The Irish Times view on the EU’s Nature Restoration Law - a welcome boost for the Green Deal

It is vital that EU governments communicate effectively the benefits to society, and ensure that adequate funding and expertise is provided

The final adoption of the Nature Restoration Law by the European Parliament on Tuesday gives a badly needed respite to the EU’s imperilled Green Deal. This has been severely damaged by recent concessions, on pesticide and fertiliser use, for example, in response to the massive wave of farmers’ protests across the Union. Yet this deal is no optional extra. It is fundamental to securing all our futures on a habitable, productive continent.

It is unfortunate that key elements of the deal, and perhaps especially the Nature Restoration Law, have been misrepresented, sometimes grossly so, by many conservatives in the European People’s Party (EPP) as major causes of the real crises faced by farmers. The EPP is running scared of surging far-right parties with strong rural bases ahead of June’s European elections. Fine Gael MEPs deserve credit for parting company from the EPP on this issue, and voting for the Nature Restoration Law with most of their Irish colleagues, albeit having watered it down with amendments earlier.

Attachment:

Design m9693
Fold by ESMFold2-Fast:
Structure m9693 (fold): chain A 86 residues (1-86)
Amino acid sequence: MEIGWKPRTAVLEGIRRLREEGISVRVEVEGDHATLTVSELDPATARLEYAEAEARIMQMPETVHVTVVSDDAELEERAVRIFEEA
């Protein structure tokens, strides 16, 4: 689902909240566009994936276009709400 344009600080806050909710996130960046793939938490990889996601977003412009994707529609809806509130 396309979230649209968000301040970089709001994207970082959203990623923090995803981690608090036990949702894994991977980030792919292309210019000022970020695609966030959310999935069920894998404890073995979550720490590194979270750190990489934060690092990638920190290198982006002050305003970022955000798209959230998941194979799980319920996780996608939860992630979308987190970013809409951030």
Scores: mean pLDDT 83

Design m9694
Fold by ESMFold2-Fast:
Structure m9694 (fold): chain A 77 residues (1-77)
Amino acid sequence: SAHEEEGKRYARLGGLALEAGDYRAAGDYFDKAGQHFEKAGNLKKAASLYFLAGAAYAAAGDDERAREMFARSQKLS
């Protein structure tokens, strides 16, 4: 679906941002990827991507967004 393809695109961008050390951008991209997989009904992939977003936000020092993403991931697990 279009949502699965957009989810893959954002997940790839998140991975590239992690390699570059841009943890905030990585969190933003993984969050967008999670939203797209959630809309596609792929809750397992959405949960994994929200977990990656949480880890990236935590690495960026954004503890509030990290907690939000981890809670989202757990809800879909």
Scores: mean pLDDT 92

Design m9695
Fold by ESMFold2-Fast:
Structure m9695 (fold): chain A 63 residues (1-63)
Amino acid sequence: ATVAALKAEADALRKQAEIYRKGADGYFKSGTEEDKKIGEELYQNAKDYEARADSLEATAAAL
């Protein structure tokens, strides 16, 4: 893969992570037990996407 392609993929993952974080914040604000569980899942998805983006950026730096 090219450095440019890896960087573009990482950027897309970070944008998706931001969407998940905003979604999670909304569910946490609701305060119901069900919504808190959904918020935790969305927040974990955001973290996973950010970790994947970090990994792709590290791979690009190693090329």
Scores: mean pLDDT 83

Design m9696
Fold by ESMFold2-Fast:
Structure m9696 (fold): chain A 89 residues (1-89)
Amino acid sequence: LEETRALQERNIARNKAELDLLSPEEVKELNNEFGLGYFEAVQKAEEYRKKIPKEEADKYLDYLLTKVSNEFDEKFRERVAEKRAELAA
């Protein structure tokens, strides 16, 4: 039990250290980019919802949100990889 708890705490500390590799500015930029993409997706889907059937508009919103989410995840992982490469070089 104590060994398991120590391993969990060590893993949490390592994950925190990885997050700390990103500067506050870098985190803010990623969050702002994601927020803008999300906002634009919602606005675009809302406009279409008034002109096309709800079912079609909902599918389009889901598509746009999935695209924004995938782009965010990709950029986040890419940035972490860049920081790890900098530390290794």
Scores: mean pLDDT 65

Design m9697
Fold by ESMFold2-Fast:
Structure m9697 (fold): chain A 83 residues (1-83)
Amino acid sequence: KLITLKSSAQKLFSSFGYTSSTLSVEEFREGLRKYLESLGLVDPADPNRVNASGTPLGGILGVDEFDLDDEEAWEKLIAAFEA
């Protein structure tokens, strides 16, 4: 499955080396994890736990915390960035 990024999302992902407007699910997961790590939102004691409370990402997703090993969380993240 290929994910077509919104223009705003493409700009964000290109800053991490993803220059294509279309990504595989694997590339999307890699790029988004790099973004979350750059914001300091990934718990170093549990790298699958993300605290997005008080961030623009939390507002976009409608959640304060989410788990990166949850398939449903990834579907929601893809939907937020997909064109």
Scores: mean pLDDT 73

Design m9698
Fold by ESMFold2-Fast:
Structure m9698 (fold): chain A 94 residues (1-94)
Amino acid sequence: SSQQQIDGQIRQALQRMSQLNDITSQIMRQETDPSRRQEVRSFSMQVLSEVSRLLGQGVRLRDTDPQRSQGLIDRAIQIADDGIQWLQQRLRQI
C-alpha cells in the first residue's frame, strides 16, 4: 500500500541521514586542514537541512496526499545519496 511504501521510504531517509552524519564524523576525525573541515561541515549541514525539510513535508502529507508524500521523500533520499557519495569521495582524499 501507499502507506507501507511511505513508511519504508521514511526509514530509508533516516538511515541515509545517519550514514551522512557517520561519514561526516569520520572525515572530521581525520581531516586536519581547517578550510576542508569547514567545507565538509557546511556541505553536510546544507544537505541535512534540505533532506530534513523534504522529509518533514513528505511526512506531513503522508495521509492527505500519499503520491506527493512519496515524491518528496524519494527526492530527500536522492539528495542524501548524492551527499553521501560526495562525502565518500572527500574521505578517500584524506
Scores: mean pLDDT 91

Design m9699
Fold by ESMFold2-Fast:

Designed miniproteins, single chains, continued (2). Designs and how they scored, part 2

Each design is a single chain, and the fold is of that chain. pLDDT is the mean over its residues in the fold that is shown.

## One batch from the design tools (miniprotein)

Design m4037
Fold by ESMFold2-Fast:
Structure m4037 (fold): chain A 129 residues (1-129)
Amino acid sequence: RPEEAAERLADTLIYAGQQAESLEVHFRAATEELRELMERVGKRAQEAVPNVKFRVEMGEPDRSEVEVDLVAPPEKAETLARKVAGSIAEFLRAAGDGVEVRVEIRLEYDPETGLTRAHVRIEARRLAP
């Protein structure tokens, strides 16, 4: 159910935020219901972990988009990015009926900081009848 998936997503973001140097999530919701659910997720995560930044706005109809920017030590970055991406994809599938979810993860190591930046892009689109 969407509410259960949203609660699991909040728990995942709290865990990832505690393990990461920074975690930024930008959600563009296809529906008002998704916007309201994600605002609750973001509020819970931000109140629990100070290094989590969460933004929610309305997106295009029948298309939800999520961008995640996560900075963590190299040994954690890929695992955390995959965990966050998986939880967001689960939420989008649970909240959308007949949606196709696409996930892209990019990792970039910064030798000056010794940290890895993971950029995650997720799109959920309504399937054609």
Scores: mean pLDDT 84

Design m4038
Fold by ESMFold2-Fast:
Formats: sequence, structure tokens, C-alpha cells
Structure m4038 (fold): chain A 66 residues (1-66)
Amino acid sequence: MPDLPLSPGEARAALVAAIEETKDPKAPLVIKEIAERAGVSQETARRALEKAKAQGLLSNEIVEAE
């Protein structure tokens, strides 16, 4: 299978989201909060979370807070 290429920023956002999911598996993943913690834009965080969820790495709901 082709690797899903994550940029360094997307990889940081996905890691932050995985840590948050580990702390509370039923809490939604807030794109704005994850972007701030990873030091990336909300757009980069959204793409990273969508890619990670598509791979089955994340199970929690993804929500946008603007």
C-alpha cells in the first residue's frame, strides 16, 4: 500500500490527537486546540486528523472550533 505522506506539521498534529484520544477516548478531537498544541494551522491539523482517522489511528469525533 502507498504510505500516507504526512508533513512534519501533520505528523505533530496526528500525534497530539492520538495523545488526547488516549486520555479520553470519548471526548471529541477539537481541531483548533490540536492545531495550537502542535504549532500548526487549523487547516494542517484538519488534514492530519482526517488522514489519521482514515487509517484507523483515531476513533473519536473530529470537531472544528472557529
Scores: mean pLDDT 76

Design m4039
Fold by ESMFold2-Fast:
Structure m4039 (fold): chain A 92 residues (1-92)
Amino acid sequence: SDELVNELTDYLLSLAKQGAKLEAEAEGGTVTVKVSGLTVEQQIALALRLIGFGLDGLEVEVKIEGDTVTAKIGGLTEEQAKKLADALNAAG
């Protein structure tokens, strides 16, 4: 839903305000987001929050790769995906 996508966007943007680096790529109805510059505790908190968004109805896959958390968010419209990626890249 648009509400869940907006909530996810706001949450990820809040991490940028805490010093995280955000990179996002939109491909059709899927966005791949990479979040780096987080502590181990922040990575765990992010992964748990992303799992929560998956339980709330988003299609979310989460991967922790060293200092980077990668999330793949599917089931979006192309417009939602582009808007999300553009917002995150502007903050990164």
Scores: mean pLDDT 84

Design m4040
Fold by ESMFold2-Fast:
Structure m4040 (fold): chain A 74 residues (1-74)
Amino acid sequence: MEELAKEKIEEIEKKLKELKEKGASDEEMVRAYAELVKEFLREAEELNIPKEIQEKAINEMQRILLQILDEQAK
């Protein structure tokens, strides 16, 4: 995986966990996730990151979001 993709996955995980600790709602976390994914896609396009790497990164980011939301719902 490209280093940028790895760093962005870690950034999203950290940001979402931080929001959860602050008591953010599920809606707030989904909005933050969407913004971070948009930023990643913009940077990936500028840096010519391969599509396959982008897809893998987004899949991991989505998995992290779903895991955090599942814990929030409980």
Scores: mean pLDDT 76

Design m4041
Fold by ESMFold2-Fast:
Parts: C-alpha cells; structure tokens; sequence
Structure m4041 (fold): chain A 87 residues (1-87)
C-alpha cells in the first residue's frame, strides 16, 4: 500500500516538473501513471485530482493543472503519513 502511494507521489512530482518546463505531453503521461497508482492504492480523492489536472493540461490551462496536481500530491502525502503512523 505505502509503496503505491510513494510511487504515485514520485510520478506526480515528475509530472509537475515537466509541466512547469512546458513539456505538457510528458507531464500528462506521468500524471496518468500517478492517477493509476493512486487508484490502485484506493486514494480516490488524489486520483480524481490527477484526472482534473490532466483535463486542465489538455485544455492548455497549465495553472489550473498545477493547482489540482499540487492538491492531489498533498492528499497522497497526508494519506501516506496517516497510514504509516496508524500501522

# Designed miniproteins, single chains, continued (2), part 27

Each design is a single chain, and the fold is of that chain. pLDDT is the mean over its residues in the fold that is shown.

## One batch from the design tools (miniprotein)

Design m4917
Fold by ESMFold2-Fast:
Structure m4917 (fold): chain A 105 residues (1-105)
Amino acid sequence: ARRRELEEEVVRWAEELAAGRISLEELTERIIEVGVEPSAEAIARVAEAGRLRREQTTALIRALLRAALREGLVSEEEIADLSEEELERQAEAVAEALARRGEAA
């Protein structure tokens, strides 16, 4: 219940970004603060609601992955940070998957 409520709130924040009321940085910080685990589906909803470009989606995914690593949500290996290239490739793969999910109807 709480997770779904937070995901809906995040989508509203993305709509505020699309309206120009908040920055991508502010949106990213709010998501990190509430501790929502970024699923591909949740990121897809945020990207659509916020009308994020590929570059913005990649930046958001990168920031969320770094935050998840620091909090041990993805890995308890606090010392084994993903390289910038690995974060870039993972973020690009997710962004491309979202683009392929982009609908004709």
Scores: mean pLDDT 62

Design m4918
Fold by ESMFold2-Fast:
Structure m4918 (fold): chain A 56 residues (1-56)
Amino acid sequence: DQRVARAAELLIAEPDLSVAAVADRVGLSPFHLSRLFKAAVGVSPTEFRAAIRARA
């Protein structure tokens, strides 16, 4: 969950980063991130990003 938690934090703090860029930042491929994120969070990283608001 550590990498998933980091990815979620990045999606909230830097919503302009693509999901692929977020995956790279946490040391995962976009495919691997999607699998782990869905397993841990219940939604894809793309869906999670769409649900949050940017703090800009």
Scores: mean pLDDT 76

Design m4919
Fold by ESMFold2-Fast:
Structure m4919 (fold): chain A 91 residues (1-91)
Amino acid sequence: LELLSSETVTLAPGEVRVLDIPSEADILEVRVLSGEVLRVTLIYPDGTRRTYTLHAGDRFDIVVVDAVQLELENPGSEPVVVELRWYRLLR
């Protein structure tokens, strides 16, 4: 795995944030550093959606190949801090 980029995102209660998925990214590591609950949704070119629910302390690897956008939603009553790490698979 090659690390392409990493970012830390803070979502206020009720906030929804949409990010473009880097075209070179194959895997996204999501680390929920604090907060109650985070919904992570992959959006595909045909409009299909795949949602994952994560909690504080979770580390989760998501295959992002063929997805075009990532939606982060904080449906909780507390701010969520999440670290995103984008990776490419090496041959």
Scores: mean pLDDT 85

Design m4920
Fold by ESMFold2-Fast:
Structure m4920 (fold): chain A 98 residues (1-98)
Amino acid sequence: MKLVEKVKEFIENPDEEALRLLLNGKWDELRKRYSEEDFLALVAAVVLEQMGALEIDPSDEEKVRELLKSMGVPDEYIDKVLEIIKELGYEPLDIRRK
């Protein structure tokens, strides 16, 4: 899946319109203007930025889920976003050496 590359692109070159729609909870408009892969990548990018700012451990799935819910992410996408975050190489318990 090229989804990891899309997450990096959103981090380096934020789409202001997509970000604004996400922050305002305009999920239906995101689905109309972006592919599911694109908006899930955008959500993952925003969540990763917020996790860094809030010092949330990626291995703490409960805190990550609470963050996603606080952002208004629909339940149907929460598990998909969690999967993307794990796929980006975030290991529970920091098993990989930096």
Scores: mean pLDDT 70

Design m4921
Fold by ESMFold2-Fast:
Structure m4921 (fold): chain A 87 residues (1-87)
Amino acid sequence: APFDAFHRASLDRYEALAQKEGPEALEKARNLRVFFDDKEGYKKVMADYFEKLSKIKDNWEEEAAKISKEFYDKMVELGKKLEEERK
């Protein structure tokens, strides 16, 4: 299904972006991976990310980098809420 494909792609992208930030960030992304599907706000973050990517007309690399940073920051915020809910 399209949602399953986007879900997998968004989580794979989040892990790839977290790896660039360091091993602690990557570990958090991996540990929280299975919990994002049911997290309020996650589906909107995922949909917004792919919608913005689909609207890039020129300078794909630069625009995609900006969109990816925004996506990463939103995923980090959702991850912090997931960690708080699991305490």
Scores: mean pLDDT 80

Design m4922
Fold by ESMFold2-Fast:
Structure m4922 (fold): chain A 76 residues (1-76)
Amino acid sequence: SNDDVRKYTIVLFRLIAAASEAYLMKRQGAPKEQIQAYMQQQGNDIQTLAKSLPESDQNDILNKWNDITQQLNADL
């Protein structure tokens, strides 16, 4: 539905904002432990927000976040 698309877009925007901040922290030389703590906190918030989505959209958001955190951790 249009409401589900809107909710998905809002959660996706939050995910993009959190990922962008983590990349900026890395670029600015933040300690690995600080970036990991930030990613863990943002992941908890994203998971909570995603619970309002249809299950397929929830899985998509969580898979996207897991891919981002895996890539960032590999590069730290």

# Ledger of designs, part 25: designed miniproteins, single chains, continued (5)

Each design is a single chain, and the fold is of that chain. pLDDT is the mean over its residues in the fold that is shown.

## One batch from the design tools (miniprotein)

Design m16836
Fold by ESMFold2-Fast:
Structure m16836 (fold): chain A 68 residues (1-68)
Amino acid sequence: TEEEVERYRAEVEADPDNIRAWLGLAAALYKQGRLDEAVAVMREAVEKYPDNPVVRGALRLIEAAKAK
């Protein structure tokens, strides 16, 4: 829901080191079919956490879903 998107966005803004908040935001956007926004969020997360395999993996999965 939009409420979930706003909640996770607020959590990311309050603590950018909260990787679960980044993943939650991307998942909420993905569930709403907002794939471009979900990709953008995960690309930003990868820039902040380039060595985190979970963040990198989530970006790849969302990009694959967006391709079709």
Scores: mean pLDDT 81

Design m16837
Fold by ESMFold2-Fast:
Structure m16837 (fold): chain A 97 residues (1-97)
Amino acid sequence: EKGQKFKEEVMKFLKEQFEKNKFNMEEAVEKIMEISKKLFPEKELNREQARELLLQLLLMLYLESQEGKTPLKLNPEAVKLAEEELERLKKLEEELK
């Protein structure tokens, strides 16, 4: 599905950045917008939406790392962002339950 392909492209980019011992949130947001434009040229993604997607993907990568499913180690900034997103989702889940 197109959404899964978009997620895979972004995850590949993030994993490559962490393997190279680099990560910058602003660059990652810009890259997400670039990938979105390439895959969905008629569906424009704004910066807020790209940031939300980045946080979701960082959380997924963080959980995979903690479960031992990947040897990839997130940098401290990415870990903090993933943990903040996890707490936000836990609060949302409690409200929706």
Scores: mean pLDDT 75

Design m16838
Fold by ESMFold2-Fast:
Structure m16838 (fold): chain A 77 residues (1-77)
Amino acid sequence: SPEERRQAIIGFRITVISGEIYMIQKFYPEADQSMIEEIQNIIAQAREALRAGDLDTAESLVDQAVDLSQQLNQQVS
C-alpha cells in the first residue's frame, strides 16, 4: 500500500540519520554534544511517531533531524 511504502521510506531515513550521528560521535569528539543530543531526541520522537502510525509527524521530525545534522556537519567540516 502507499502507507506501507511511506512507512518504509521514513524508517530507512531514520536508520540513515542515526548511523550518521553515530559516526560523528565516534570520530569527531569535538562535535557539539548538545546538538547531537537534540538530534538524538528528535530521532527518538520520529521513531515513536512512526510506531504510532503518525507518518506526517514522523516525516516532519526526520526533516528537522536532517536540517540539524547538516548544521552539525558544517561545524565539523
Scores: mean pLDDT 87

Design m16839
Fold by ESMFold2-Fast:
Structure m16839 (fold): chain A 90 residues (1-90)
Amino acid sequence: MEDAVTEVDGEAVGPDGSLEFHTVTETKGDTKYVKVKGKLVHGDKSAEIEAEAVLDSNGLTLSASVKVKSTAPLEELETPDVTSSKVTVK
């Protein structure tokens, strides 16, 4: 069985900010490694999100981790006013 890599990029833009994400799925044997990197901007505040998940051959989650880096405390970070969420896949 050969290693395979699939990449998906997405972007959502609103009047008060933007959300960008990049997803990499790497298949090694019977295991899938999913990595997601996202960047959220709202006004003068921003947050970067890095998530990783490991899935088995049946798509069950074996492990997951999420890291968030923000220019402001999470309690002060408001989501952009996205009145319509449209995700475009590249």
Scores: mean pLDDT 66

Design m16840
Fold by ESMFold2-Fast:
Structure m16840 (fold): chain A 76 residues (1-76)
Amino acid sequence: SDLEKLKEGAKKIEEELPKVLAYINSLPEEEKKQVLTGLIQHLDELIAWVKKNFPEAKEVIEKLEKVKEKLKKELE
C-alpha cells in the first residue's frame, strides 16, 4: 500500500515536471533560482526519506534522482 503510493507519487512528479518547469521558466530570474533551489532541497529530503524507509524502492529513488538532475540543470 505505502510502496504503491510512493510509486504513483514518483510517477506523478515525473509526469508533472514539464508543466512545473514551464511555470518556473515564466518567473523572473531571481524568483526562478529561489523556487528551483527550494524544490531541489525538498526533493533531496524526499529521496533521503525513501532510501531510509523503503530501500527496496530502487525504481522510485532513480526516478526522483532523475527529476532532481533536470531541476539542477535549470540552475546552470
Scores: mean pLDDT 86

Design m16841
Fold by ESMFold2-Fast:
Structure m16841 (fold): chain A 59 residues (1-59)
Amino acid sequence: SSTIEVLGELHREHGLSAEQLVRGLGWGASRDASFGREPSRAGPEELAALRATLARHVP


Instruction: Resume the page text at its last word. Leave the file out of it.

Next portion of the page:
That said, farmers have strong grounds for their protests: they face plunging farm gate prices, manipulated by supermarkets, while their energy and fertiliser costs soar. They are further undermined by cheap imports. Contradictory and onerous bureaucracy around environmental regulation has also indeed added to their burdens.

There is an irony in the misrepresentation of the Nature Restoration Law as an attack on farmers’ interests. Rural communities across Europe are among the sectors most immediately exposed to the ravages being wrought by the interlinked forces of biodiversity and climate collapse. Floods, fires, drought and pollinator extinctions are destroying agricultural production in more and more regions. Farmers have a core interest in the restoration of fertile landscapes, properly functioning ecosystems, and seasonal stability.


However, it must be conceded that this misrepresentation has been made much easier by the dismal failure of the European Commission, and of national governments, including Ireland’s, to consult farmers about environmental regulations, to communicate their benefits and to pay farmers adequately for biodiversity – and climate-friendly practices.

Meanwhile, some environmentalists have inadvertently contributed to farmer ire by conflating the science-based practice of ecological restoration, on which its provisions are based, with the rhetoric of “rewilding”. This phrase is often read by farmers as “land abandonment”, contempt for their culture, and the loss of their livelihoods.

It is vital that all EU governments now communicate effectively the benefits of nature restoration to our whole societies, and ensure that adequate funding and expertise is provided to bring these benefits to visible and rapid fruition.